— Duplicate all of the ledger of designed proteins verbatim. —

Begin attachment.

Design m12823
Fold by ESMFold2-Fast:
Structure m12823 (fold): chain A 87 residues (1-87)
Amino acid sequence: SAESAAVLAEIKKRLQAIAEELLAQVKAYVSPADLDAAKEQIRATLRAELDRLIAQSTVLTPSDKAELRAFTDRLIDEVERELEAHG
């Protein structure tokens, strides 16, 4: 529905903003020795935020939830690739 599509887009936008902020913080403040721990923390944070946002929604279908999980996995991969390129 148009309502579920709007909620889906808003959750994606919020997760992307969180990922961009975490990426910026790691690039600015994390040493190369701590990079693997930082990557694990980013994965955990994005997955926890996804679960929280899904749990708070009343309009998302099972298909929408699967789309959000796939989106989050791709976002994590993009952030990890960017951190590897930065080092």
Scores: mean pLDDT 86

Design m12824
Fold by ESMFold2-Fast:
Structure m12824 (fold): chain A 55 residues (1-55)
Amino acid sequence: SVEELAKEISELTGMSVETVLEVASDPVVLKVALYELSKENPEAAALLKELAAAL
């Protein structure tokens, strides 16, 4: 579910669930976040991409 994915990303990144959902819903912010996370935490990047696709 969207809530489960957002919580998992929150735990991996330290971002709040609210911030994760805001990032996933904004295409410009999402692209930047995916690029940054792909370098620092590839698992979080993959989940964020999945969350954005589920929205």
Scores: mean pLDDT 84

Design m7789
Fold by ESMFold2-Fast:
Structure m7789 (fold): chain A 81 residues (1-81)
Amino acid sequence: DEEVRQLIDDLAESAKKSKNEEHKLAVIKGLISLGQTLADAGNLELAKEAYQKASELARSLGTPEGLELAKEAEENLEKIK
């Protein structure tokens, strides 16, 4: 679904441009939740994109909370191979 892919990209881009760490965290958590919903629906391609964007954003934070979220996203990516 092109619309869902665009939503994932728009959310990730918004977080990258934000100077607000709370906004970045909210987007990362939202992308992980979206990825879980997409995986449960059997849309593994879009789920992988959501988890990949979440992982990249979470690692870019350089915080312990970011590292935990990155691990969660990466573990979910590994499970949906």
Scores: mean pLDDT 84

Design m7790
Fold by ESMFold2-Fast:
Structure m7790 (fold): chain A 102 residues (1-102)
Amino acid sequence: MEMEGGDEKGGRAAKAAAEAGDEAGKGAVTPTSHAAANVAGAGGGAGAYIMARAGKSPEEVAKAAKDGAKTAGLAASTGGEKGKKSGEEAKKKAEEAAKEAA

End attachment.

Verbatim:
Design m12823
Fold by ESMFold2-Fast:
Structure m12823 (fold): chain A 87 residues (1-87)
Amino acid sequence: SAESAAVLAEIKKRLQAIAEELLAQVKAYVSPADLDAAKEQIRATLRAELDRLIAQSTVLTPSDKAELRAFTDRLIDEVERELEAHG
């Protein structure tokens, strides 16, 4: 529905903003020795935020939830690739 599509887009936008902020913080403040721990923390944070946002929604279908999980996995991969390129 148009309502579920709007909620889906808003959750994606919020997760992307969180990922961009975490990426910026790691690039600015994390040493190369701590990079693997930082990557694990980013994965955990994005997955926890996804679960929280899904749990708070009343309009998302099972298909929408699967789309959000796939989106989050791709976002994590993009952030990890960017951190590897930065080092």
Scores: mean pLDDT 86

Design m12824
Fold by ESMFold2-Fast:
Structure m12824 (fold): chain A 55 residues (1-55)
Amino acid sequence: SVEELAKEISELTGMSVETVLEVASDPVVLKVALYELSKENPEAAALLKELAAAL
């Protein structure tokens, strides 16, 4: 579910669930976040991409 994915990303990144959902819903912010996370935490990047696709 969207809530489960957002919580998992929150735990991996330290971002709040609210911030994760805001990032996933904004295409410009999402692209930047995916690029940054792909370098620092590839698992979080993959989940964020999945969350954005589920929205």
Scores: mean pLDDT 84

Design m7789
Fold by ESMFold2-Fast:
Structure m7789 (fold): chain A 81 residues (1-81)
Amino acid sequence: DEEVRQLIDDLAESAKKSKNEEHKLAVIKGLISLGQTLADAGNLELAKEAYQKASELARSLGTPEGLELAKEAEENLEKIK
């Protein structure tokens, strides 16, 4: 679904441009939740994109909370191979 892919990209881009760490965290958590919903629906391609964007954003934070979220996203990516 092109619309869902665009939503994932728009959310990730918004977080990258934000100077607000709370906004970045909210987007990362939202992308992980979206990825879980997409995986449960059997849309593994879009789920992988959501988890990949979440992982990249979470690692870019350089915080312990970011590292935990990155691990969660990466573990979910590994499970949906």
Scores: mean pLDDT 84

Design m7790
Fold by ESMFold2-Fast:
Structure m7790 (fold): chain A 102 residues (1-102)
Amino acid sequence: MEMEGGDEKGGRAAKAAAEAGDEAGKGAVTPTSHAAANVAGAGGGAGAYIMARAGKSPEEVAKAAKDGAKTAGLAASTGGEKGKKSGEEAKKKAEEAAKEAA